Childhood Development

A home with small children is an exciting place to live. The activities of growing youngsters bring a never-ending series of delights. Yet life for these offspring is fraught with many perils.

Although many of the infectious diseases that took the lives of babies and young children a generation ago have come under control with better public health and hygienic measures, certain infectious diseases and risks of accidents, are always threatening. The newborn period is especially a time when vigilance is needed.

From the time a new baby takes his first breath through the first few weeks of life, great care is needed to provide a protected environment of health. Assuming that anatomic development has taken place normally, that first vital breath is encouraged as mucus gets cleared from the nose, mouth, and throat.

The rubber suction bulb is an indispensable device in the delivery suite, as well as the newborn nursery. Every parent should also have one of these suction devices in the home. It can be used to clear mucus, and is of considerable help during colds to maintain an unobstructed airway.

The newborn baby should usually sleep on his or her abdomen or be propped on one side, since for several weeks your baby is unable to turn him or herself. Aspiration of regurgitated milk or other stomach contents can occur when he or she is on his or her back.

Temperature stability is also important. A newborn entering the world is damp, and will immediately begin to lose heat. Therefore he or she must be dried, wrapped in a warm blanket, and either held close to the mother or in a special warming device.

In modern hospitals most nurses put a stocking cap over the baby’ s head to prevent rapid heat loss that otherwise occurs through a moist scalp, particularly those who have lots of hair. Avoid giving the newborn baby a bath too early, for this washes away the valuable cheese-like vernix caseosa that acts as a cosmetic cream to prevent drying and cracking of the baby’s skin.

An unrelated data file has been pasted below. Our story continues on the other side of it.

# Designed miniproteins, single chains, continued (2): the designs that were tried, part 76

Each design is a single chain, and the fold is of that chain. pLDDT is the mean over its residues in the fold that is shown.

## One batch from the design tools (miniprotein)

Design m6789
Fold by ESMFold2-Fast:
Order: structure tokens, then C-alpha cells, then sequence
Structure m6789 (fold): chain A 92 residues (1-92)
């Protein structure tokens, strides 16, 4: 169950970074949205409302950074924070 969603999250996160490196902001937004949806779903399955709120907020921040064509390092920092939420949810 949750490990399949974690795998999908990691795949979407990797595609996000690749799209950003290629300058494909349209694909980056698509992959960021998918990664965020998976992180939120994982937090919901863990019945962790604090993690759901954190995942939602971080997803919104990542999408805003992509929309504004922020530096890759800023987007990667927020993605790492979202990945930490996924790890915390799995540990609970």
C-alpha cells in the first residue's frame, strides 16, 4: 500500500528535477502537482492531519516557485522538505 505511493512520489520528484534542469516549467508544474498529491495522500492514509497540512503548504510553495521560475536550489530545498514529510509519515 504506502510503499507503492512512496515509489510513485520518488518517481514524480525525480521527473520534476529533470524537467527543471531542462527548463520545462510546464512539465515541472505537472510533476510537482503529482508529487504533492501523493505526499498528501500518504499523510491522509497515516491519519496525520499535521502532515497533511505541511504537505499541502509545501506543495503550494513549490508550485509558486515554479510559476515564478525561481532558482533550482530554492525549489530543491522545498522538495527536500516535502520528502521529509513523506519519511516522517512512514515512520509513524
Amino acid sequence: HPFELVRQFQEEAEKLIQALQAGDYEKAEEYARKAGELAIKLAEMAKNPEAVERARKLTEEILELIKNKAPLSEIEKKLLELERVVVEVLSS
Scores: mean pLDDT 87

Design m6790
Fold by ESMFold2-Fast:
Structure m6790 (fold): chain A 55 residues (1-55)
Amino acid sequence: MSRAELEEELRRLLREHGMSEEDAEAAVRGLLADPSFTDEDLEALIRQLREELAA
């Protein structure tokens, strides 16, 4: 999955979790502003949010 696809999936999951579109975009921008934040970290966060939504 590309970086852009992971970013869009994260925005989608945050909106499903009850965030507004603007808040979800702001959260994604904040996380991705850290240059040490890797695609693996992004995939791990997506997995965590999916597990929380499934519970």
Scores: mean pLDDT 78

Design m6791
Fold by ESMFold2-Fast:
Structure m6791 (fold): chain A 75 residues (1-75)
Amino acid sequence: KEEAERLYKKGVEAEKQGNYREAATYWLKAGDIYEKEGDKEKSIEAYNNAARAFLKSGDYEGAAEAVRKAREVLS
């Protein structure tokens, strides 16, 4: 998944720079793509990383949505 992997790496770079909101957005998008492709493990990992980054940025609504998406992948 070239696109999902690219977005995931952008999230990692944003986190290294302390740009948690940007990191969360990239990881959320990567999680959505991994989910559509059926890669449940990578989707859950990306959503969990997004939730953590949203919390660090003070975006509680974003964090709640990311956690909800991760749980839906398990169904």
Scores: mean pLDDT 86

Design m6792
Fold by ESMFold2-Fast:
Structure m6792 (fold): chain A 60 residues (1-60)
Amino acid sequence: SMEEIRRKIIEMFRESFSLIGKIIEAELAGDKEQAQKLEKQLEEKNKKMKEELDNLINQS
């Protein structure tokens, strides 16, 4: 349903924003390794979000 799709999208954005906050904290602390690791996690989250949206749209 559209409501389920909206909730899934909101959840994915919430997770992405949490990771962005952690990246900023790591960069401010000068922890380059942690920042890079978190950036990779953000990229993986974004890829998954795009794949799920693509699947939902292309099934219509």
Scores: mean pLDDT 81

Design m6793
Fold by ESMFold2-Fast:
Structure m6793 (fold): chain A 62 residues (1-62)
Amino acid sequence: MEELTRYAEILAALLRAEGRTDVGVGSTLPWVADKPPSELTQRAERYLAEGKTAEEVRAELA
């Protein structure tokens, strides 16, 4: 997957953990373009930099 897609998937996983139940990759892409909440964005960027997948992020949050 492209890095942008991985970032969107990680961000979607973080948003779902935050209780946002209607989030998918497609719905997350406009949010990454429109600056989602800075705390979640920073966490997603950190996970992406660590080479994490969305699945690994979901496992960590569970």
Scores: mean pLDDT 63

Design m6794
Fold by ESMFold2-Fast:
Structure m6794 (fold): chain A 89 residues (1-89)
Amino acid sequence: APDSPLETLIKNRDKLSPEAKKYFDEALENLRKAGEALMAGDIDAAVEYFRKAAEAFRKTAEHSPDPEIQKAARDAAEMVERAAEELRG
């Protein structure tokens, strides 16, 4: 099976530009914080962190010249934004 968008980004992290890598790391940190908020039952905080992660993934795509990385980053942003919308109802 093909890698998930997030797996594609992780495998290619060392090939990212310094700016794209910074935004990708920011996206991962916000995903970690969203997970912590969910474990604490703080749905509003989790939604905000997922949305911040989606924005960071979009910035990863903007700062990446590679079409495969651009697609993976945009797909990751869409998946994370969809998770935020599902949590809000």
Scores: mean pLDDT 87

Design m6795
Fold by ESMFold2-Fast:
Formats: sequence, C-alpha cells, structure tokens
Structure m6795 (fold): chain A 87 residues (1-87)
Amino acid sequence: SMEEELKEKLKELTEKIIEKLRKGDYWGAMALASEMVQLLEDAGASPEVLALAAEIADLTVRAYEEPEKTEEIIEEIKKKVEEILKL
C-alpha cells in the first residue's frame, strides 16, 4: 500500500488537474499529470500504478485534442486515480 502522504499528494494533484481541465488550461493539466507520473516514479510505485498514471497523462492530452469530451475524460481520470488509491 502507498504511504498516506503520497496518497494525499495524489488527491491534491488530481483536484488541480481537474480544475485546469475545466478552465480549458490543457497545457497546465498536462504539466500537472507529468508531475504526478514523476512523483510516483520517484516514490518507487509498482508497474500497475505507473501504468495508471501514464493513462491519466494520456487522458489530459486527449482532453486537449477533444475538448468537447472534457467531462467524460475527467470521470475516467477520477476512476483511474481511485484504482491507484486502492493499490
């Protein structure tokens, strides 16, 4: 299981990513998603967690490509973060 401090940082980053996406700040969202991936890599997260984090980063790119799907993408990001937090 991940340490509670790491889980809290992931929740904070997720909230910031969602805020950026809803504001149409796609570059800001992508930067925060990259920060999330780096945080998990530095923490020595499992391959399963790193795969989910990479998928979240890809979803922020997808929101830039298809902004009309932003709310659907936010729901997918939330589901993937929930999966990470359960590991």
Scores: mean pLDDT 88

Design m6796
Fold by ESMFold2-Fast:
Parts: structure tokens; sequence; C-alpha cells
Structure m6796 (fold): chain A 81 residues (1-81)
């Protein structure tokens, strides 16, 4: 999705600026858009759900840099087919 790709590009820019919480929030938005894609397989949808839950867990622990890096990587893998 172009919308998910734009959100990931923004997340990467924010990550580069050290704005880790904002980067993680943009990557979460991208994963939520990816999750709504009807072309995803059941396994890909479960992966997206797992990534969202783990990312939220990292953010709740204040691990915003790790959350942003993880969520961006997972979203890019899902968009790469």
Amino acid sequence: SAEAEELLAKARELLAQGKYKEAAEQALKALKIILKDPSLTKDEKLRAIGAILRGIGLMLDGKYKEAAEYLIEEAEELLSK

Moreover, the greater necessity of warmth than cleanliness makes it advisable to delay the bath for several hours. As one looks at the newborn baby, several features become apparent. In contrast to adults, whose head is about one-eighth the size of the body, a newborn baby is divided more equally with a larger proportionate head size.

Charts are available to tell whether the circumference of the head is within normal limits. The height (about 20 inches) and the weight, which is usually 5.5 to 8 pounds (2500 to 4000 grams) also give a good estimate of the baby’s maturity.

The newborn’s skin is usually ruddy in complexion, particularly if the child has been left attached to the umbilical cord until pulsations cease. This extra blood that is “transfused” from the placenta can keep the baby’ s hemoglobin higher for several months, in spite of low iron intake.

After his or her initial cry the infant may either continue with the same loud sounds or sleep quietly for an hour. A low level of excitement in the birth room and the absence of trauma during delivery will influence this reaction considerably.

Usually the eyes are closed, but if they are open a light can be shined in to determine the presence of pupils with their “red reflex” off the retina. The ears are normally formed with well-developed cartilage, except in the premature, and the ear canals should be open (patent).